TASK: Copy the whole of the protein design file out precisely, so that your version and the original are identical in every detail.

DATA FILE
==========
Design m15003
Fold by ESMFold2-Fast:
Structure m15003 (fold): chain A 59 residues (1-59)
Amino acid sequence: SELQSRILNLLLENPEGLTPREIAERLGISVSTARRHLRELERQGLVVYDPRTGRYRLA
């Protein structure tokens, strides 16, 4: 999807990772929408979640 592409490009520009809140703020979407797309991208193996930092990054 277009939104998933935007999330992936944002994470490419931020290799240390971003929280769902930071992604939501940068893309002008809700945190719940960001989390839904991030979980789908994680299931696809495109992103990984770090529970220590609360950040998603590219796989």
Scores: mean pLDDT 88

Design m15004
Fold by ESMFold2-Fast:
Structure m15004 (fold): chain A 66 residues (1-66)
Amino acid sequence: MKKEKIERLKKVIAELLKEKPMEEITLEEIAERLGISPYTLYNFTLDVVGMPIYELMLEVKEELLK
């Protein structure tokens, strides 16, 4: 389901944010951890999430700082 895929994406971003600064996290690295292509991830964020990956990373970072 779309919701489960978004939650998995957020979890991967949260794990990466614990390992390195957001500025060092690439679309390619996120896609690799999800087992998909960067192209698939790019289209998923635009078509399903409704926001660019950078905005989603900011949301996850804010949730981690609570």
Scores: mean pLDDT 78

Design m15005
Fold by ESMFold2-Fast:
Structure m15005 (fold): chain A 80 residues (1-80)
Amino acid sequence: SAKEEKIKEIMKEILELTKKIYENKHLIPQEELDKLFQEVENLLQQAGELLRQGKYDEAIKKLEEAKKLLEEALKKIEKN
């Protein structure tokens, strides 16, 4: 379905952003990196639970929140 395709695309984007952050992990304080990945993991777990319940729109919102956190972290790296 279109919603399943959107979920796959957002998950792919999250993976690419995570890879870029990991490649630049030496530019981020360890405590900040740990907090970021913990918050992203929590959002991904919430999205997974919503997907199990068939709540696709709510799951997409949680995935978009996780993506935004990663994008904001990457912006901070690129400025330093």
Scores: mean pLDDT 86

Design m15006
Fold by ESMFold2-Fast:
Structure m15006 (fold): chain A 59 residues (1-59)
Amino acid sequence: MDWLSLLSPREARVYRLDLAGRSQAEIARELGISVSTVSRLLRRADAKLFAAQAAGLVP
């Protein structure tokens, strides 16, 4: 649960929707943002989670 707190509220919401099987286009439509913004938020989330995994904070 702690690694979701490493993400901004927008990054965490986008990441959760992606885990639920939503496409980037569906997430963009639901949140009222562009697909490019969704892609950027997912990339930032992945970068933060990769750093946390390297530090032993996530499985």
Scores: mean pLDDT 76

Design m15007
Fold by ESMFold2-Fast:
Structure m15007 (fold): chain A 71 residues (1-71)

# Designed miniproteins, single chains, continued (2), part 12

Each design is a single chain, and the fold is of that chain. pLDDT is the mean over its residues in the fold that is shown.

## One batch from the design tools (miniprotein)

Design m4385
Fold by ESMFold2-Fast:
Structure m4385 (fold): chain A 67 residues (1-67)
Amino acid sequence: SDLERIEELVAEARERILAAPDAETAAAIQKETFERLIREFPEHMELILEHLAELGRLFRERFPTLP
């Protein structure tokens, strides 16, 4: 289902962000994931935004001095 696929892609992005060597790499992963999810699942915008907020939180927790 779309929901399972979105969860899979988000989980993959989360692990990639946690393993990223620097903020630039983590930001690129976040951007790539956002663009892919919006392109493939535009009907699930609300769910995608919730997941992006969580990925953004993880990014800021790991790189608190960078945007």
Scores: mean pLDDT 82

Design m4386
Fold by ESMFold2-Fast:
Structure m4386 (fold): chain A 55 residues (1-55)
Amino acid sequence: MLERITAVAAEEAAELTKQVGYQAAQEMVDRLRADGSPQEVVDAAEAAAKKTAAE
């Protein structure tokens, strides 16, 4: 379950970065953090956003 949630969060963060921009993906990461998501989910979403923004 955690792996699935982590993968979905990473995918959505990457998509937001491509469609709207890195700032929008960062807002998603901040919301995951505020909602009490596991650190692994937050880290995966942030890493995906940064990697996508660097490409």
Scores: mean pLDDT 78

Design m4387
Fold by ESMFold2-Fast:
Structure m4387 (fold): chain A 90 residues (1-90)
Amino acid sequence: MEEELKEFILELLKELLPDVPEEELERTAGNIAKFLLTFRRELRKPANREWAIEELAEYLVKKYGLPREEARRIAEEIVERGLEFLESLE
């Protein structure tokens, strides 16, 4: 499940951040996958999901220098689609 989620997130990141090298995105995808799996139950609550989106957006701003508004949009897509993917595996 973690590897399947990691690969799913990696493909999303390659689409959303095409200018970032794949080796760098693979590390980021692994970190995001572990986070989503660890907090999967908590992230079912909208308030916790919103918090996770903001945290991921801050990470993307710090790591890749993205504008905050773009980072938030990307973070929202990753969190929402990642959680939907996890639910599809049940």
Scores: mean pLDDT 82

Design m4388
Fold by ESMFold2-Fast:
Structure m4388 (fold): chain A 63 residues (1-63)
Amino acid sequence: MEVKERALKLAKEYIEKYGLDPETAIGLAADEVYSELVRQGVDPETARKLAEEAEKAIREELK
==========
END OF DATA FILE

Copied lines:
Design m15003
Fold by ESMFold2-Fast:
Structure m15003 (fold): chain A 59 residues (1-59)
Amino acid sequence: SELQSRILNLLLENPEGLTPREIAERLGISVSTARRHLRELERQGLVVYDPRTGRYRLA
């Protein structure tokens, strides 16, 4: 999807990772929408979640 592409490009520009809140703020979407797309991208193996930092990054 277009939104998933935007999330992936944002994470490419931020290799240390971003929280769902930071992604939501940068893309002008809700945190719940960001989390839904991030979980789908994680299931696809495109992103990984770090529970220590609360950040998603590219796989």
Scores: mean pLDDT 88

Design m15004
Fold by ESMFold2-Fast:
Structure m15004 (fold): chain A 66 residues (1-66)
Amino acid sequence: MKKEKIERLKKVIAELLKEKPMEEITLEEIAERLGISPYTLYNFTLDVVGMPIYELMLEVKEELLK
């Protein structure tokens, strides 16, 4: 389901944010951890999430700082 895929994406971003600064996290690295292509991830964020990956990373970072 779309919701489960978004939650998995957020979890991967949260794990990466614990390992390195957001500025060092690439679309390619996120896609690799999800087992998909960067192209698939790019289209998923635009078509399903409704926001660019950078905005989603900011949301996850804010949730981690609570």
Scores: mean pLDDT 78

Design m15005
Fold by ESMFold2-Fast:
Structure m15005 (fold): chain A 80 residues (1-80)
Amino acid sequence: SAKEEKIKEIMKEILELTKKIYENKHLIPQEELDKLFQEVENLLQQAGELLRQGKYDEAIKKLEEAKKLLEEALKKIEKN
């Protein structure tokens, strides 16, 4: 379905952003990196639970929140 395709695309984007952050992990304080990945993991777990319940729109919102956190972290790296 279109919603399943959107979920796959957002998950792919999250993976690419995570890879870029990991490649630049030496530019981020360890405590900040740990907090970021913990918050992203929590959002991904919430999205997974919503997907199990068939709540696709709510799951997409949680995935978009996780993506935004990663994008904001990457912006901070690129400025330093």
Scores: mean pLDDT 86

Design m15006
Fold by ESMFold2-Fast:
Structure m15006 (fold): chain A 59 residues (1-59)
Amino acid sequence: MDWLSLLSPREARVYRLDLAGRSQAEIARELGISVSTVSRLLRRADAKLFAAQAAGLVP
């Protein structure tokens, strides 16, 4: 649960929707943002989670 707190509220919401099987286009439509913004938020989330995994904070 702690690694979701490493993400901004927008990054965490986008990441959760992606885990639920939503496409980037569906997430963009639901949140009222562009697909490019969704892609950027997912990339930032992945970068933060990769750093946390390297530090032993996530499985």
Scores: mean pLDDT 76

Design m15007
Fold by ESMFold2-Fast:
Structure m15007 (fold): chain A 71 residues (1-71)

# Designed miniproteins, single chains, continued (2), part 12

Each design is a single chain, and the fold is of that chain. pLDDT is the mean over its residues in the fold that is shown.

## One batch from the design tools (miniprotein)

Design m4385
Fold by ESMFold2-Fast:
Structure m4385 (fold): chain A 67 residues (1-67)
Amino acid sequence: SDLERIEELVAEARERILAAPDAETAAAIQKETFERLIREFPEHMELILEHLAELGRLFRERFPTLP
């Protein structure tokens, strides 16, 4: 289902962000994931935004001095 696929892609992005060597790499992963999810699942915008907020939180927790 779309929901399972979105969860899979988000989980993959989360692990990639946690393993990223620097903020630039983590930001690129976040951007790539956002663009892919919006392109493939535009009907699930609300769910995608919730997941992006969580990925953004993880990014800021790991790189608190960078945007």
Scores: mean pLDDT 82

Design m4386
Fold by ESMFold2-Fast:
Structure m4386 (fold): chain A 55 residues (1-55)
Amino acid sequence: MLERITAVAAEEAAELTKQVGYQAAQEMVDRLRADGSPQEVVDAAEAAAKKTAAE
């Protein structure tokens, strides 16, 4: 379950970065953090956003 949630969060963060921009993906990461998501989910979403923004 955690792996699935982590993968979905990473995918959505990457998509937001491509469609709207890195700032929008960062807002998603901040919301995951505020909602009490596991650190692994937050880290995966942030890493995906940064990697996508660097490409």
Scores: mean pLDDT 78

Design m4387
Fold by ESMFold2-Fast:
Structure m4387 (fold): chain A 90 residues (1-90)
Amino acid sequence: MEEELKEFILELLKELLPDVPEEELERTAGNIAKFLLTFRRELRKPANREWAIEELAEYLVKKYGLPREEARRIAEEIVERGLEFLESLE
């Protein structure tokens, strides 16, 4: 499940951040996958999901220098689609 989620997130990141090298995105995808799996139950609550989106957006701003508004949009897509993917595996 973690590897399947990691690969799913990696493909999303390659689409959303095409200018970032794949080796760098693979590390980021692994970190995001572990986070989503660890907090999967908590992230079912909208308030916790919103918090996770903001945290991921801050990470993307710090790591890749993205504008905050773009980072938030990307973070929202990753969190929402990642959680939907996890639910599809049940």
Scores: mean pLDDT 82

Design m4388
Fold by ESMFold2-Fast:
Structure m4388 (fold): chain A 63 residues (1-63)
Amino acid sequence: MEVKERALKLAKEYIEKYGLDPETAIGLAADEVYSELVRQGVDPETARKLAEEAEKAIREELK